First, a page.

Masters of Sex
To promote its new period drama Masters of Sex, Showtime came up with quite a racy logo. The sideways E in the word sex is more than just a stylish flourish; it appears to be the outline of a naked woman's body. The logo has appeared in most print and online ad campaigns and can be seen on many billboards and bus ads. But in some parts of the country, the network had to flip the E upright for its outdoor campaigns. "Because of standards, we had to modify the E," says Donald Buckley, Showtime's executive vice president of program marketing and digital services. "It's intriguing. We're having fun with it."
Next to Charlie Brown's Great Pumpkin, my favorite Halloween TV touchstone is The Simpsons' annual "Treehouse of Horror" special, with Mad Magazine-worthy parodies of things that go "D-oh!" in the night. It's airing unusually early this year in advance of post-season baseball pre-emptions, but what better way to get in the spirit — and as a bonus for the 24th edition (Sunday, 8/7c, Fox), horror maestro Guillermo Del Toro has designed an elaborate "couch gag" opening sequence that's a kaleidoscopic homage to...
"This whole thing feels like Christmas or something!" Participating in the Masters and Johnson sex study is the gift that keeps on giving for Dr. Austin Langham (Teddy Sears) on Showtime's Masters of Sex (Sunday, 10/9c).
Breaking Bad indeed went out with a bang.
Sunday's 75-minute series finale pulled in a record 10.3 million viewers, well up from its previous series record of 6.6 million, which it delivered last week. The episode also averaged a record 6.7 million viewers in the adults 18-to-49 demographic, improving ...
It's clear that anyone tuning into Masters of Sex expects to see, well, lots of sex. That doesn't necessarily mean, however, that viewers are using the series as some form of surrogate pornography, but rather are curious about how the series treats sex -- as smut? as science? as procreation? as titillation? In short, just how sexy is the sex on the show?
All work and no foreplay makes Dr. William Masters anything but a dull boy.
With the assistance of a free-thinking single mother named Virginia Johnson, this renowned fertility specialist and pioneer in the study of sexual physiology challenges the repressive social mores of the late '50s, when Peyton Place is considered risqué and most people (according to Masters) "sit hunched in the dark like prudish cavemen filled with shame and guilt" when it came to thinking about sex.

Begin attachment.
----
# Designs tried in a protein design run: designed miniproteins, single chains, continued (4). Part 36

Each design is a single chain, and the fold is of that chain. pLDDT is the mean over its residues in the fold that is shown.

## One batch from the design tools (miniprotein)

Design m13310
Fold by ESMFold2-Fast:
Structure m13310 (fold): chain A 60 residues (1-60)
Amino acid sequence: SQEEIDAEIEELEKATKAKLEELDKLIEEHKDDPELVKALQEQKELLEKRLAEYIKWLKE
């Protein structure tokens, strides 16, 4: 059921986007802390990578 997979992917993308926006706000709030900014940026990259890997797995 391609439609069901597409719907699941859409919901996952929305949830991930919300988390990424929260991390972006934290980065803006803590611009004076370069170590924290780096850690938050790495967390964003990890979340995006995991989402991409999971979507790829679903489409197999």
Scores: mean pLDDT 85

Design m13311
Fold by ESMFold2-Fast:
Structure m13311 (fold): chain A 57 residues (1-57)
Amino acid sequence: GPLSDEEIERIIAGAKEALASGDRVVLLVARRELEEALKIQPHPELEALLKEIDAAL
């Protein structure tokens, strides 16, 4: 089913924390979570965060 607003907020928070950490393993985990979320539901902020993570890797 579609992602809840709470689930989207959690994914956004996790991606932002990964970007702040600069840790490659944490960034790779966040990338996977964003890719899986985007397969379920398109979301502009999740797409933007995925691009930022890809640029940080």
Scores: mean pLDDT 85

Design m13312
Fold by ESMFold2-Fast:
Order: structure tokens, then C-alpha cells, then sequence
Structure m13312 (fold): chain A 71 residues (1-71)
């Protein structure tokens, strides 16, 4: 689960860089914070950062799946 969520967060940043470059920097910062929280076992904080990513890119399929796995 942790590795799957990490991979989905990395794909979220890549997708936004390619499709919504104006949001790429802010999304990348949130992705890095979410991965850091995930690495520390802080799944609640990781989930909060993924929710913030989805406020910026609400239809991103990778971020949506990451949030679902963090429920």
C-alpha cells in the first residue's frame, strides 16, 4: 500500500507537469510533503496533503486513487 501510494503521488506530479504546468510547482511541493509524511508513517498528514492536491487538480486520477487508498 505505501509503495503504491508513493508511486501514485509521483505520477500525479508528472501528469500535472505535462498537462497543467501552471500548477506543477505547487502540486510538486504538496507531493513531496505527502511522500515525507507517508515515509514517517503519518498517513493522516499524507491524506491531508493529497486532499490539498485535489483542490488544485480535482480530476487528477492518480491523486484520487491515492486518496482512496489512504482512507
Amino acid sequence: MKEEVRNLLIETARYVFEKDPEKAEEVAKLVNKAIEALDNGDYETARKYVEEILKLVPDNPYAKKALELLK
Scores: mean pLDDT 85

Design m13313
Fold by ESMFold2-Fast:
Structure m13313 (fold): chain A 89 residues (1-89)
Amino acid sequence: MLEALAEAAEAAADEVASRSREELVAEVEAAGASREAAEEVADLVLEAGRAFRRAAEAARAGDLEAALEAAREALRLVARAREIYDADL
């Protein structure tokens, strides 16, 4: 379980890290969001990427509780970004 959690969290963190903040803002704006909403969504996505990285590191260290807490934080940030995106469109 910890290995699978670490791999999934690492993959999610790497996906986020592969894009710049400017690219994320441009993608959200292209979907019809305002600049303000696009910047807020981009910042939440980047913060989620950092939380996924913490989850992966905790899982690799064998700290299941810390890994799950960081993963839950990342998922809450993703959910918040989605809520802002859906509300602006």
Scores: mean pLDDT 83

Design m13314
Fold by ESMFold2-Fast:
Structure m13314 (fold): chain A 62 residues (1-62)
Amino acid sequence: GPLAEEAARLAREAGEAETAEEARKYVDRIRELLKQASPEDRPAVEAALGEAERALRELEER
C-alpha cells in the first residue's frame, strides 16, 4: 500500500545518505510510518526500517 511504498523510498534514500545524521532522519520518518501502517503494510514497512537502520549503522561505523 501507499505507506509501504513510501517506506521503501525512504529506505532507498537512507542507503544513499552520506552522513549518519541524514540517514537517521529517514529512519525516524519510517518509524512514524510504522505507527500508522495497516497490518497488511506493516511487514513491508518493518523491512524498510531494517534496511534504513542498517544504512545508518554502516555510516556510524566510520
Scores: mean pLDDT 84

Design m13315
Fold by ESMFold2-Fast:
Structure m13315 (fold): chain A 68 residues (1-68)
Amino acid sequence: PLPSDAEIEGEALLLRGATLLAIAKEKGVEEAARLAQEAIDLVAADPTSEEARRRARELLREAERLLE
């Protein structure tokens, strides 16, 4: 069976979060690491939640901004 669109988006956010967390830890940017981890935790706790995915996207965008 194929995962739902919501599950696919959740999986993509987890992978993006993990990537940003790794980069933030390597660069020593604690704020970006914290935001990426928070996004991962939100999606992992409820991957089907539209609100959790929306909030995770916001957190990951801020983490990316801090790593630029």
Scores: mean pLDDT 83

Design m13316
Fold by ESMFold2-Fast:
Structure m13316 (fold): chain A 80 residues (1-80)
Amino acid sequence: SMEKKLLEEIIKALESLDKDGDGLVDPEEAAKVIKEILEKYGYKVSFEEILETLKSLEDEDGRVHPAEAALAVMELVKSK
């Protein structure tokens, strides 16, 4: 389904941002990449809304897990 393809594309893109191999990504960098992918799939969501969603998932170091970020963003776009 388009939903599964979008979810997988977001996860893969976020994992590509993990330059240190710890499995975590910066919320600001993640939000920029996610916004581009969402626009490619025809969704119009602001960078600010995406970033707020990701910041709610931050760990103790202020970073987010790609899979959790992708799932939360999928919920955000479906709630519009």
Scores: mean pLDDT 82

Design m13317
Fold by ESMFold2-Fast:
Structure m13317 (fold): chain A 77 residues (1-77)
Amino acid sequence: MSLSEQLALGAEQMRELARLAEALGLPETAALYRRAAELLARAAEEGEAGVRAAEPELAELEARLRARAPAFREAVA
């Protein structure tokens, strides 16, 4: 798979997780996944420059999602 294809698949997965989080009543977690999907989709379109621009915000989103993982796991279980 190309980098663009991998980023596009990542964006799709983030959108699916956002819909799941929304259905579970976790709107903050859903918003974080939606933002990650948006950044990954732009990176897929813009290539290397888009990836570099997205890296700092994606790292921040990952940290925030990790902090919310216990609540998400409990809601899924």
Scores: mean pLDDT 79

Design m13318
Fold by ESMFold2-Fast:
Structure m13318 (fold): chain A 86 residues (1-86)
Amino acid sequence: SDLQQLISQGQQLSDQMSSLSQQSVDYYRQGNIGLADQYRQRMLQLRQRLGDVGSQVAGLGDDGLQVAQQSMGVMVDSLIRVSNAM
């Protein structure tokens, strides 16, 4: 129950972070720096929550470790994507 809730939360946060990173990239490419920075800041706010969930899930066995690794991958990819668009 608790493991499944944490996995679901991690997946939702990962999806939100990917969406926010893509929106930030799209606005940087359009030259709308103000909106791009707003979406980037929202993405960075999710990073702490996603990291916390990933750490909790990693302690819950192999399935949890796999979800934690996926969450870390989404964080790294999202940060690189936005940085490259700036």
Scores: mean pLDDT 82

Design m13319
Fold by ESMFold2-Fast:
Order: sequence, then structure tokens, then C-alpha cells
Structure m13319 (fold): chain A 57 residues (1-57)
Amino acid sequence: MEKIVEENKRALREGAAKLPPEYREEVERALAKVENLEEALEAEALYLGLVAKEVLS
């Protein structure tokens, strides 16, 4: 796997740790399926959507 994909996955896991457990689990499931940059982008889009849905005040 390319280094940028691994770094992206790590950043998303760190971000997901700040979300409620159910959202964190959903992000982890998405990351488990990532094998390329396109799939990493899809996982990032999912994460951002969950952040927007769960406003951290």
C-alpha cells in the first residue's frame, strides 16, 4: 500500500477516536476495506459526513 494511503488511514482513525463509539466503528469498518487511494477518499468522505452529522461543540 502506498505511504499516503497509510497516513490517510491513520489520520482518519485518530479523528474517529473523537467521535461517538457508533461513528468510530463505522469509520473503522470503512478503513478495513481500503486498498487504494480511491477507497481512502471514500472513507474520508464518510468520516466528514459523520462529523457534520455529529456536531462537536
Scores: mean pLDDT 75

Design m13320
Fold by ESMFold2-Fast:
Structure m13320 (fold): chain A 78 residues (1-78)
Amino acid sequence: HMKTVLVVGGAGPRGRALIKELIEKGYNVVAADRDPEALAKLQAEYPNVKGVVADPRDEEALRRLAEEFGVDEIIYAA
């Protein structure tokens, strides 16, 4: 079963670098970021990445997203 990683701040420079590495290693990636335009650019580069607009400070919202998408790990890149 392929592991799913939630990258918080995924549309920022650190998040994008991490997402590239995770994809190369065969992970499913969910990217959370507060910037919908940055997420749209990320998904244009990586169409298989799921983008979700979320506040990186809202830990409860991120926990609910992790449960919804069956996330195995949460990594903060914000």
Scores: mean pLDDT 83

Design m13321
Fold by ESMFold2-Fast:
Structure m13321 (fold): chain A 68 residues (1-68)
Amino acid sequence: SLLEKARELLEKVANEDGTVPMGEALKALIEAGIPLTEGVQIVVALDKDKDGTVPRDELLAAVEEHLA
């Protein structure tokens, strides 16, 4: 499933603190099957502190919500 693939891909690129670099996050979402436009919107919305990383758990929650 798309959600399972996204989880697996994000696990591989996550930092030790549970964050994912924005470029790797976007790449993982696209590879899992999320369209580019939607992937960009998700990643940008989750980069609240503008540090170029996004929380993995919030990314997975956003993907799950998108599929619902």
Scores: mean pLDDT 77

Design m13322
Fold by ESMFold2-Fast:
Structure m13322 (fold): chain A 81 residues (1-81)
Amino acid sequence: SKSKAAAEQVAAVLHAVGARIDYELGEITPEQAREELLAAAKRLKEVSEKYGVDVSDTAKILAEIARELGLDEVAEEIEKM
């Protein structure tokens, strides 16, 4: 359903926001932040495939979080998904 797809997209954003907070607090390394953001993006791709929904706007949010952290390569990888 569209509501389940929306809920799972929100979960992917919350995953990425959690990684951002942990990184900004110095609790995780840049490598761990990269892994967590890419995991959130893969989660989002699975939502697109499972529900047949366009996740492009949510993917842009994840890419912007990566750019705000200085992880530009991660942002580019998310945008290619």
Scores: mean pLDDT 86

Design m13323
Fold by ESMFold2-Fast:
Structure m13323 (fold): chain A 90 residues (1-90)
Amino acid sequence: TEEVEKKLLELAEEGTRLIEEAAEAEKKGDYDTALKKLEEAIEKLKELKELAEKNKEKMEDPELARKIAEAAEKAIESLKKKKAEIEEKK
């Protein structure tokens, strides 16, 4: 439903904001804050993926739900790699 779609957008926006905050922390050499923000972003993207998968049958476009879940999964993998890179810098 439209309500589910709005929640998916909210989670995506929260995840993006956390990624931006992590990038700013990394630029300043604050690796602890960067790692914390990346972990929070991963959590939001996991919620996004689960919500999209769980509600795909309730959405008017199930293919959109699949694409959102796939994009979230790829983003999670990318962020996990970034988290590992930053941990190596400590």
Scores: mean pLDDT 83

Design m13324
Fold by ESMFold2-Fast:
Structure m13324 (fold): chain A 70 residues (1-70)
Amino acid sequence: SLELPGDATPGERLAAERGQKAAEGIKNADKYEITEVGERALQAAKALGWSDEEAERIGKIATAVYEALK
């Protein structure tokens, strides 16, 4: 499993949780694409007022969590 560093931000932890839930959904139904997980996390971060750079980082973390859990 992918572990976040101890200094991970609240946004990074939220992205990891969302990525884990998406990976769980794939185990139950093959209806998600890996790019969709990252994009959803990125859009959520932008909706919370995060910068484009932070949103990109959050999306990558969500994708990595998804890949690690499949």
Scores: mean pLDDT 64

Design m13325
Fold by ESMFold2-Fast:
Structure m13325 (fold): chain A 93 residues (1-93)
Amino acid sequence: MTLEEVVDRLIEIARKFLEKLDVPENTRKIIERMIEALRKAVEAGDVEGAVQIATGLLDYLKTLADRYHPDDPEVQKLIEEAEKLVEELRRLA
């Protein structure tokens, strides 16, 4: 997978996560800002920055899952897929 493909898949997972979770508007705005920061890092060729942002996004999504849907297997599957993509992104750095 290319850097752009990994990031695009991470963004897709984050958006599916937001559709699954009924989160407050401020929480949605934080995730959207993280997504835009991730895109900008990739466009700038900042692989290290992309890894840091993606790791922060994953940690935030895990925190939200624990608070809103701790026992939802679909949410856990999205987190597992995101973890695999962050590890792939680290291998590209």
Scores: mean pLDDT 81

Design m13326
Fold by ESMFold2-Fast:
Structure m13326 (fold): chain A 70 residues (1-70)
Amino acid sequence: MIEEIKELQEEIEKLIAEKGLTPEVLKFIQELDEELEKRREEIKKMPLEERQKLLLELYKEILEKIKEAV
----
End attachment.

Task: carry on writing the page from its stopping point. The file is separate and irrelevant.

Nicholle Tom and Michael Sheen
It's sink or swim time for the studios behind this fall's crop of new TV shows. For the past year, executives have been pitching, developing, casting and producing what they hope will be the next big hits. Now it's all out of their hands, as viewers determine whether those series will go the distance or end up on the cancellation heap.
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Question: My question is about the new Joss Whedon show that has one of the most convoluted names I've ever heard: Marvel's Agents of S.H.I.E.L.D. I am a Whedon fan to the max, having watched every episode of every TV (and Internet) show he has ever done, and enjoyed them thoroughly. I am not, however, a moviegoer nor a comic book reader. I cannot remember the last theatrical production I've seen, and the only comics I read are the Buffy/Angel follow-ups. And that leaves me concerned about S.H.I.E.L.D. Every article I read, and even the just-released preview, mentions events that happened/people who existed in one or more theatrical movies, and many articles mention future movies that will tie into the events on the show. Since I never watched those movies — and most likely won't watch the future movies — am I going to be totally lost when the television show premieres?
Adelaide Kane, Toby Regbo
Let's start with a little pop quiz from Tuesday's leg of the TCA press tour. Guess which network president summed up his programming philosophy this way — "The enemy of good television is boredom and predictability" — the head of The CW or the leader of Showtime?
If you guessed the latter, it really wasn't much of a guess, was it? Because few things are more predictable than a new CW fall programming slate, which hardly seems new at all: not with a Vampire Diaries spin-off on tap — The Originals, which could hardly be less original — and a remake of the British series The Tomorrow People that looks like any number of interchangeable CW shows about moody teens with superpowers (minus the ability to credibly emote). While CW president Mark Pedowitz discussed plans to introduce a possible Flash spin-off within Arrow this season, and to spin off the way-past-its-prime Supernatural with a show about hunters and monsters set in Chicago, you'd be forgiven for thinking the network's initials now stand for "Clone World."
Master of Sex
By now, Masters of Sex star Michael Sheen has gotten used to nudity and watching sex acts performed in front of him.
"We've seen so many people do bizarre things in front of you, you get used to it," Sheen said at the Television Critics Association fall previews on Tuesday. "There's a naked woman in front of you masturbating ... and you almost don't notice."